Illinois Natural History Survey - University of Illinois

Prairie Trout Lily

Susan Post

Location, location, location is everything in real estate. In botany, however, if not everything, it can often provide a definite clue to a plant’s identity—a  clue Charles Robertson should have considered when he was collecting in 1880. Erythronium mesochoreum, the prairie trout lily, looks like the white trout lily but grows in a different habitat. When it was first collected in Illinois on April 3, 1880 from Macoupin County near Carlinville, Robertson identified the specimen as the white trout lily (E. albidum), not taking into consideration the habitat where  the plant was growing. One hundred years would pass before E. mesochoreum  would be discovered again and Robertson’s specimens correctly identified by Illinois Natural History Survey (INHS) botanists.

During 1981, botanists from INHS, the Illinois State Museum, and the Illinois Department of Natural Resources observed and collected a trout lily on a prairie remnant in Macoupin County. They identified it as the prairie trout lily. Until this discovery, prairie trout lily was not recognized as occurring east of the Mississippi River. The closest occurring population was found in Pike and St. Louis counties of Missouri.

While the initial impression (both have singular white flowers with yellow stamens) may serve to confuse prairie trout lily with the woodland, white trout lily, there are several distinguishing characteristics. The prairie trout lily is a plant of the dry, southern tallgrass prairies and open oak woodland habitats. It occurs in southern Iowa, eastern Nebraska, eastern Kansas, Missouri, Oklahoma, and north-central Texas. It has an earlier blooming period—March through early April—in Illinois. The leaves are narrow, folded along their length, and usually lack speckling.  In the white trout lily, the speckling of the leaves led to the common name trout lily, referring to their resemblance to the markings on a trout. The prairie trout lilly’s fruit droops to the ground at maturity, whereas, in the white trout lily the fruit is held erect.  The white trout lily produces runners that are usually covered by leaf litter, whereas, the runners are absent in the prairie trout lily.  A final distinguishing character is that immature, single-leaved plants are infrequently found when the population is in flower.  This is in marked contrast to the white trout lily, which can carpet the understory of woods with its leaves, while only a few blooms make their appearance.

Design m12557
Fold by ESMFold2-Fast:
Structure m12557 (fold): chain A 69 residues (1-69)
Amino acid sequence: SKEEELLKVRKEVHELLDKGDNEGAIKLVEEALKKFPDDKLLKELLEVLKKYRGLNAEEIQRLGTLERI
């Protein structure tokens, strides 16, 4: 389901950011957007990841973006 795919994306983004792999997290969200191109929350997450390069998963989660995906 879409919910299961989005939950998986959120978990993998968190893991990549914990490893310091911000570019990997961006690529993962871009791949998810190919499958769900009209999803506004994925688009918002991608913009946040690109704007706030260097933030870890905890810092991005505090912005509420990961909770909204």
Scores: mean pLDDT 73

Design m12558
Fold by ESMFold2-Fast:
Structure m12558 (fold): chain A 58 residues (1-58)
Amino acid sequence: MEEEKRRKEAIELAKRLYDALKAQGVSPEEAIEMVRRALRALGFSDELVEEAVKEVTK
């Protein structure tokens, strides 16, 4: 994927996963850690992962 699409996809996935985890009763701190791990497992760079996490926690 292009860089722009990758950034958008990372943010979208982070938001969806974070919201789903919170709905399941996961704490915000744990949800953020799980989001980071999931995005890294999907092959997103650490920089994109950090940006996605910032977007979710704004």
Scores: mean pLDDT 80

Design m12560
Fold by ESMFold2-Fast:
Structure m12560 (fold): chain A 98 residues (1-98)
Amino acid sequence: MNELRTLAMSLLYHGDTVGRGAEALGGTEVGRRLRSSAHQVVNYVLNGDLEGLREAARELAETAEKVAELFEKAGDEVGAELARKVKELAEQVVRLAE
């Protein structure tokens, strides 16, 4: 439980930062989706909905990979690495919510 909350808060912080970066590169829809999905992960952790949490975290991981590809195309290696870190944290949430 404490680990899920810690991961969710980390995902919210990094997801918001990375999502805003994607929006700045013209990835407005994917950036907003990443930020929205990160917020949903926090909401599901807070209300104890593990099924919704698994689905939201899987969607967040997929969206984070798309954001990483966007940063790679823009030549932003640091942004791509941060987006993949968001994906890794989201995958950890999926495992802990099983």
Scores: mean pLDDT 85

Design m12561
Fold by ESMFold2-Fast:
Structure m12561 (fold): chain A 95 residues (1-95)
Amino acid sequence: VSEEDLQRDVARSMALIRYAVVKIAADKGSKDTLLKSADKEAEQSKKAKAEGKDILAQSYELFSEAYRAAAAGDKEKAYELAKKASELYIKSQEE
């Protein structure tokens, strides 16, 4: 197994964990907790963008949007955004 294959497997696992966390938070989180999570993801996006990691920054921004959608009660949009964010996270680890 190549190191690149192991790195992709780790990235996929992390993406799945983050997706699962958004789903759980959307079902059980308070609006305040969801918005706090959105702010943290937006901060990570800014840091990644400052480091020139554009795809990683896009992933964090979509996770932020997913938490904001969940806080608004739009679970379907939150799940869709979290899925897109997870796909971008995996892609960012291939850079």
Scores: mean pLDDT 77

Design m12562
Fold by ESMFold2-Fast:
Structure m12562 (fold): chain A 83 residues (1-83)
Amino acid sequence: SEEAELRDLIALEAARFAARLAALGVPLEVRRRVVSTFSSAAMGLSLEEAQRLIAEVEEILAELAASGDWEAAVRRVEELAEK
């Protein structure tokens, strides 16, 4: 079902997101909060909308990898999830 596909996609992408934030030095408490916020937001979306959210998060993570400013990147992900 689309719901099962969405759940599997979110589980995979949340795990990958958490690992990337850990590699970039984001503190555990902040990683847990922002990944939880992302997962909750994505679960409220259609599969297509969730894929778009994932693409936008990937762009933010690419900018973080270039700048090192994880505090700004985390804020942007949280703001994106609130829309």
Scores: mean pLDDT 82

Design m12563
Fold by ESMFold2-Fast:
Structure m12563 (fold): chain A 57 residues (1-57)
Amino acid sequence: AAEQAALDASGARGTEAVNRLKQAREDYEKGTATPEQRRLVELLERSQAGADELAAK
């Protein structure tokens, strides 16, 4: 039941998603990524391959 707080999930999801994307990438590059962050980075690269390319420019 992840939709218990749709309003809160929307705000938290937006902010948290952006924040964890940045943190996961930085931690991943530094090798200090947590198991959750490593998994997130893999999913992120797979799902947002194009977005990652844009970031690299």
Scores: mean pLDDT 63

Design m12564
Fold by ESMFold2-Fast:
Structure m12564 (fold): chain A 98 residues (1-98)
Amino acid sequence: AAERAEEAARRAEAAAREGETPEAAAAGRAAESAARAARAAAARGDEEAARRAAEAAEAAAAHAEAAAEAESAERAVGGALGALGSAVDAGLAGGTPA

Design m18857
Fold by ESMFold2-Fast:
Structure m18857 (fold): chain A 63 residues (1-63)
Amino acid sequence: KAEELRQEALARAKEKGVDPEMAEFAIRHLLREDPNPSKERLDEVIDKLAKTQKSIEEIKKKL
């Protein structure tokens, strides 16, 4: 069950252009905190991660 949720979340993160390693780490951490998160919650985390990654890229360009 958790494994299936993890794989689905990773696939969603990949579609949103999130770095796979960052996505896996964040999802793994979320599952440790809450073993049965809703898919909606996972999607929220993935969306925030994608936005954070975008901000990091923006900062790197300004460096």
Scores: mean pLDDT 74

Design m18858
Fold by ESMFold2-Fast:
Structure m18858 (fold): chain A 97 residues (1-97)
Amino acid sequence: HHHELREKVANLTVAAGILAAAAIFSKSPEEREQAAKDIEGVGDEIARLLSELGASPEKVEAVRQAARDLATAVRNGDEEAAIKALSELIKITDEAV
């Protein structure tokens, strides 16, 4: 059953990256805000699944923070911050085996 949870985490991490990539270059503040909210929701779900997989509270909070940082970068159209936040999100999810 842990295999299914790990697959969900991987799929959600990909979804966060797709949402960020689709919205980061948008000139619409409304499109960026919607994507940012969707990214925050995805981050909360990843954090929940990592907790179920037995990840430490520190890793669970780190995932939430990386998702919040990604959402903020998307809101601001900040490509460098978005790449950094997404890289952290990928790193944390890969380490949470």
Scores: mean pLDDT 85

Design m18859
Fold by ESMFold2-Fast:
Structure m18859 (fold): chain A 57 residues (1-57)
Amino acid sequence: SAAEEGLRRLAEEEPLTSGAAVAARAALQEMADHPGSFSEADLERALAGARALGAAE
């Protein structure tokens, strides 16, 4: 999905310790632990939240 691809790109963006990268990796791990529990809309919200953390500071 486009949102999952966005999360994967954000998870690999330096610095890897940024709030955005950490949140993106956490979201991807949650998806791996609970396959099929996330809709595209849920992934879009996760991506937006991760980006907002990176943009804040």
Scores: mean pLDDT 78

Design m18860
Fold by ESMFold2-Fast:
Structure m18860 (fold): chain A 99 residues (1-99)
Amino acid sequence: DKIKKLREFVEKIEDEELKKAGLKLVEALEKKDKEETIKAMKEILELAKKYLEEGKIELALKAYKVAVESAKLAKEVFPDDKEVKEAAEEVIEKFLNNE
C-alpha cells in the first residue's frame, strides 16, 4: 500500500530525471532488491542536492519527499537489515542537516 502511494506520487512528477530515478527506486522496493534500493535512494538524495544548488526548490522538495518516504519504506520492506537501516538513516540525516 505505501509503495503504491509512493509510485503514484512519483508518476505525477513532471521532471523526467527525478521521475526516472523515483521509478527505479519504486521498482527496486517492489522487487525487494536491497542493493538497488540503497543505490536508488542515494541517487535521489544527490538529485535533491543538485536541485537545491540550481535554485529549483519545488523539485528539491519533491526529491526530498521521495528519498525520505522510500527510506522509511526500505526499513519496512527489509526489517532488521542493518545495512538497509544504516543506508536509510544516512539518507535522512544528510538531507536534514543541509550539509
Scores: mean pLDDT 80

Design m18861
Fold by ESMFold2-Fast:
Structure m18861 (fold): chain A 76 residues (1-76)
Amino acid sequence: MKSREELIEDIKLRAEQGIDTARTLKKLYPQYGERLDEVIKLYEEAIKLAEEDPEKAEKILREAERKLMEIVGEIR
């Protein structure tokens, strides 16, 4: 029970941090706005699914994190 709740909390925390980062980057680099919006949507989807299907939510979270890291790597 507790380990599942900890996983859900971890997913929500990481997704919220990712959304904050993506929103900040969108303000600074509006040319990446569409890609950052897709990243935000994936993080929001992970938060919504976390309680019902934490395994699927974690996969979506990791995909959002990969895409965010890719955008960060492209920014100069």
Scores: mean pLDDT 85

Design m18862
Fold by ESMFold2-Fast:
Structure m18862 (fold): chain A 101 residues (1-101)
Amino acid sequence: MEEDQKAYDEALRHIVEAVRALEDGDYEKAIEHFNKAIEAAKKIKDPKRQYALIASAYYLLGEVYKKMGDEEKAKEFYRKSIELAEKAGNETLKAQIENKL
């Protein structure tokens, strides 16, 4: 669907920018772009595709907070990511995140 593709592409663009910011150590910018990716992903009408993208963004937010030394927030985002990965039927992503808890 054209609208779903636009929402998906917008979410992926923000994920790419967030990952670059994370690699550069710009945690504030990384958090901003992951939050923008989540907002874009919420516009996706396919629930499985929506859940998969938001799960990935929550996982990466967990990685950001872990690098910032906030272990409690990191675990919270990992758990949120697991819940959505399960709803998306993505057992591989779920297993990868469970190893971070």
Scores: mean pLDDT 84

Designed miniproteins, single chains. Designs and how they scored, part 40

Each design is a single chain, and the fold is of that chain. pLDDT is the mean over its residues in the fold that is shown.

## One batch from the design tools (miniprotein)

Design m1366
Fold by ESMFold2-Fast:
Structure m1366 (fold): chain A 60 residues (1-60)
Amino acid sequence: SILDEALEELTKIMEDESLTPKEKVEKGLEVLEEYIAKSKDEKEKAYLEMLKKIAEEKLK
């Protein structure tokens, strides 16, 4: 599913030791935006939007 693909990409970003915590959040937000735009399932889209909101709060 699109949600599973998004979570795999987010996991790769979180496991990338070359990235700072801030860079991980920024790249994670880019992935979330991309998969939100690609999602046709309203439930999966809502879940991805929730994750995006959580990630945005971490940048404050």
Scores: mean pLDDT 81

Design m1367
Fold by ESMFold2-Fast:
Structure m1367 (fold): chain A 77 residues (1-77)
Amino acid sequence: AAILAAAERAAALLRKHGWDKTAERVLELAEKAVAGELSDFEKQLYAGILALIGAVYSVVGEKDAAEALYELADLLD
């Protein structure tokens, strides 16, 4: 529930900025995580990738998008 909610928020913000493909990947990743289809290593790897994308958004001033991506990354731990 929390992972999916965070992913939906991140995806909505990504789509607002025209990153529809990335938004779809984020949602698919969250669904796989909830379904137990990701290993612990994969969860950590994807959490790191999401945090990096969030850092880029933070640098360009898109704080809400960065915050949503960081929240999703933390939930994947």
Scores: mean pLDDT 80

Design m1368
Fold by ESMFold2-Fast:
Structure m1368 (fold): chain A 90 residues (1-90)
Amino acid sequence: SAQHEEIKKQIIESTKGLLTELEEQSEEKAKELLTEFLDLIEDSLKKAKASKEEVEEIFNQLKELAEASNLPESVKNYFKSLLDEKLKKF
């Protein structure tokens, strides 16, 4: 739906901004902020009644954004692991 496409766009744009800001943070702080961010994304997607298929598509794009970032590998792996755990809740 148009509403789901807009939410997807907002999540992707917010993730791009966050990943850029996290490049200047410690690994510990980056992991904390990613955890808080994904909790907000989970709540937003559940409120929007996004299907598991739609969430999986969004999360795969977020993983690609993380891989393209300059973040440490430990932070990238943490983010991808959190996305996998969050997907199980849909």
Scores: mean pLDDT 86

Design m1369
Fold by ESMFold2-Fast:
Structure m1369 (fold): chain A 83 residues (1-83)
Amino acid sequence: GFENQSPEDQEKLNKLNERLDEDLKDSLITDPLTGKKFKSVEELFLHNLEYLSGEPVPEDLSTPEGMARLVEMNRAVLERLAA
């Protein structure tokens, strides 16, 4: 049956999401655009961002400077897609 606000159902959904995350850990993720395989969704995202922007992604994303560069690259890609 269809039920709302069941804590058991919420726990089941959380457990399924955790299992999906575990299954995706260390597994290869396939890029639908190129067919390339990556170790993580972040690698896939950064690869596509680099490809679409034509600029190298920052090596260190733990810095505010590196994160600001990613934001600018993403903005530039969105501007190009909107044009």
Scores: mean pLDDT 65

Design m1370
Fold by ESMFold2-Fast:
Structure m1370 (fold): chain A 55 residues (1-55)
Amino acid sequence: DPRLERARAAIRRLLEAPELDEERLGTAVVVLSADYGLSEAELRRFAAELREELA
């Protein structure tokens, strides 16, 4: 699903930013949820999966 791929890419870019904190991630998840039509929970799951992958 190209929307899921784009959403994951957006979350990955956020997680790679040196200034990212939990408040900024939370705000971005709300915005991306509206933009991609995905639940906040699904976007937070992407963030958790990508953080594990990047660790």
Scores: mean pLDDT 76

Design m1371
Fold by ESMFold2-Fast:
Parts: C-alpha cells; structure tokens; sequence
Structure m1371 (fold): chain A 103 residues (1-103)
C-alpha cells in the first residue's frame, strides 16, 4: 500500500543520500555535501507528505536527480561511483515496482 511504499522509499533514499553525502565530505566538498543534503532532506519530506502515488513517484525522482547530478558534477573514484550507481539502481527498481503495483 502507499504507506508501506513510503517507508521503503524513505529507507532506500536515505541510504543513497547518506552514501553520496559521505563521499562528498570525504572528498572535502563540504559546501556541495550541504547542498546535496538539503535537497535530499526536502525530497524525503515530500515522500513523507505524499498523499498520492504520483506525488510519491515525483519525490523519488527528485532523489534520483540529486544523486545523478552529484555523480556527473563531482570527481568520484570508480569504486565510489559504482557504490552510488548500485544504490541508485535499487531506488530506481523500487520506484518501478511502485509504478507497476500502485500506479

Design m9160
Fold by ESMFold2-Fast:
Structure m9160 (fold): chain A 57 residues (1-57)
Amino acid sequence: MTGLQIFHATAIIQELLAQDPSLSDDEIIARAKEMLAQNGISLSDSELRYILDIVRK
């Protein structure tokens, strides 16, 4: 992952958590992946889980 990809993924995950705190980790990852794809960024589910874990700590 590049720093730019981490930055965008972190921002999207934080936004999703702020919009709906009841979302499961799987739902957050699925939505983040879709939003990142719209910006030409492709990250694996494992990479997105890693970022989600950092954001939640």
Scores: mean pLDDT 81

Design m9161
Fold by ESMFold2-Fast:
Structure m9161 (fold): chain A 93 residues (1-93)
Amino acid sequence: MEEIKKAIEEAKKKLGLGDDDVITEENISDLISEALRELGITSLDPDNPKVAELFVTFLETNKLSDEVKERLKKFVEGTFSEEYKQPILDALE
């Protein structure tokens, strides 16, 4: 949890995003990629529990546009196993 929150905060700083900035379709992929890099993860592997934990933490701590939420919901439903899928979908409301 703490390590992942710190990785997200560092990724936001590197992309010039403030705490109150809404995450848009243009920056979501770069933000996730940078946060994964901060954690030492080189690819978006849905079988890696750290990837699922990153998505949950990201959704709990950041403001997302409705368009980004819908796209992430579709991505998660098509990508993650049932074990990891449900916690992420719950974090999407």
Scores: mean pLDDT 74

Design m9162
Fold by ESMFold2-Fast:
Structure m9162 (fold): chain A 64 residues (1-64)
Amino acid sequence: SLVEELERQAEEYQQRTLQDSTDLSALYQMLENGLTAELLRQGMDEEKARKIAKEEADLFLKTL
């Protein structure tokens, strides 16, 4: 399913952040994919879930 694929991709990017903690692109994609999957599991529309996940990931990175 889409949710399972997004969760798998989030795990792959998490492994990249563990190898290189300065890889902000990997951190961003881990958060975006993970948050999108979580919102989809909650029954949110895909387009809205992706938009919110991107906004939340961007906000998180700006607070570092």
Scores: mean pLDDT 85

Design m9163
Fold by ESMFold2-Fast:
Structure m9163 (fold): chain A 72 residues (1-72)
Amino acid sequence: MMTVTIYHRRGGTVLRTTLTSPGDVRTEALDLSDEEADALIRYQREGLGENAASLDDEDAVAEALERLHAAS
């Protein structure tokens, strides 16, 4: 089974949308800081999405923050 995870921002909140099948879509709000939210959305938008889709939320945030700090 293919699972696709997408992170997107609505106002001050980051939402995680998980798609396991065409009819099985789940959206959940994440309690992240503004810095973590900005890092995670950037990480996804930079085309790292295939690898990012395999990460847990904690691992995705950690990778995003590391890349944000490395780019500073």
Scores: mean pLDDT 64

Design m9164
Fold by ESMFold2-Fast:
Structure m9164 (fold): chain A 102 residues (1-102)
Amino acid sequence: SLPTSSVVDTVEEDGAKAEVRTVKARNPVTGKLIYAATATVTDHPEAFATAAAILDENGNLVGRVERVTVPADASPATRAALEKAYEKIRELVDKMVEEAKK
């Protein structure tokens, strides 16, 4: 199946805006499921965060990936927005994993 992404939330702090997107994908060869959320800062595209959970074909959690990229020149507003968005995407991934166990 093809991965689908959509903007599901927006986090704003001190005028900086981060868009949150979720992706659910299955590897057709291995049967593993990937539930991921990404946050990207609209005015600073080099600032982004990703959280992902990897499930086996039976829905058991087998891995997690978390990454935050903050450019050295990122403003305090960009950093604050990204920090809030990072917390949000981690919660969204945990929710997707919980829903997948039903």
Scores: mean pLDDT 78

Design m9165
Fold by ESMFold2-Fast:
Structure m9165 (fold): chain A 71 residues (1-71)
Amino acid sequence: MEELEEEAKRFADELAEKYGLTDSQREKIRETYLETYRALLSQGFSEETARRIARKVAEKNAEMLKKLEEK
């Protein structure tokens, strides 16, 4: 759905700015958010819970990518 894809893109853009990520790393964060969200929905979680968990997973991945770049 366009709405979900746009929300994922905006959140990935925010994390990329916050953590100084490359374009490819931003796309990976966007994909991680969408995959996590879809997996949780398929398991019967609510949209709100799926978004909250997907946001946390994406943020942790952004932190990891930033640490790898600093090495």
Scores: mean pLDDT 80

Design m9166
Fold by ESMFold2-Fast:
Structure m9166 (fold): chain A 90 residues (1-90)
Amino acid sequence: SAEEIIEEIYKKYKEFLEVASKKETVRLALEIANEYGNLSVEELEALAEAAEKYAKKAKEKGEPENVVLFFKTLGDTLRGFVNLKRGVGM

The white trout lily is known from moist woods throughout Illinois.  Prairie trout lily is known mainly from a few western locations in Illinois. Denby Prairie Nature Preserve in Macoupin County is one of the few sites where this plant may be observed.

Download PDF



Illinois Natural History Survey

1816 South Oak Street, MC 652
Champaign, IL 61820
217-333-6880
cms@inhs.illinois.edu

Terms of use. Email the Web Administrator with questions or comments.

© 2017 University of Illinois Board of Trustees. All rights reserved.
For permissions information, contact the Illinois Natural History Survey.

Staff Intranet
Login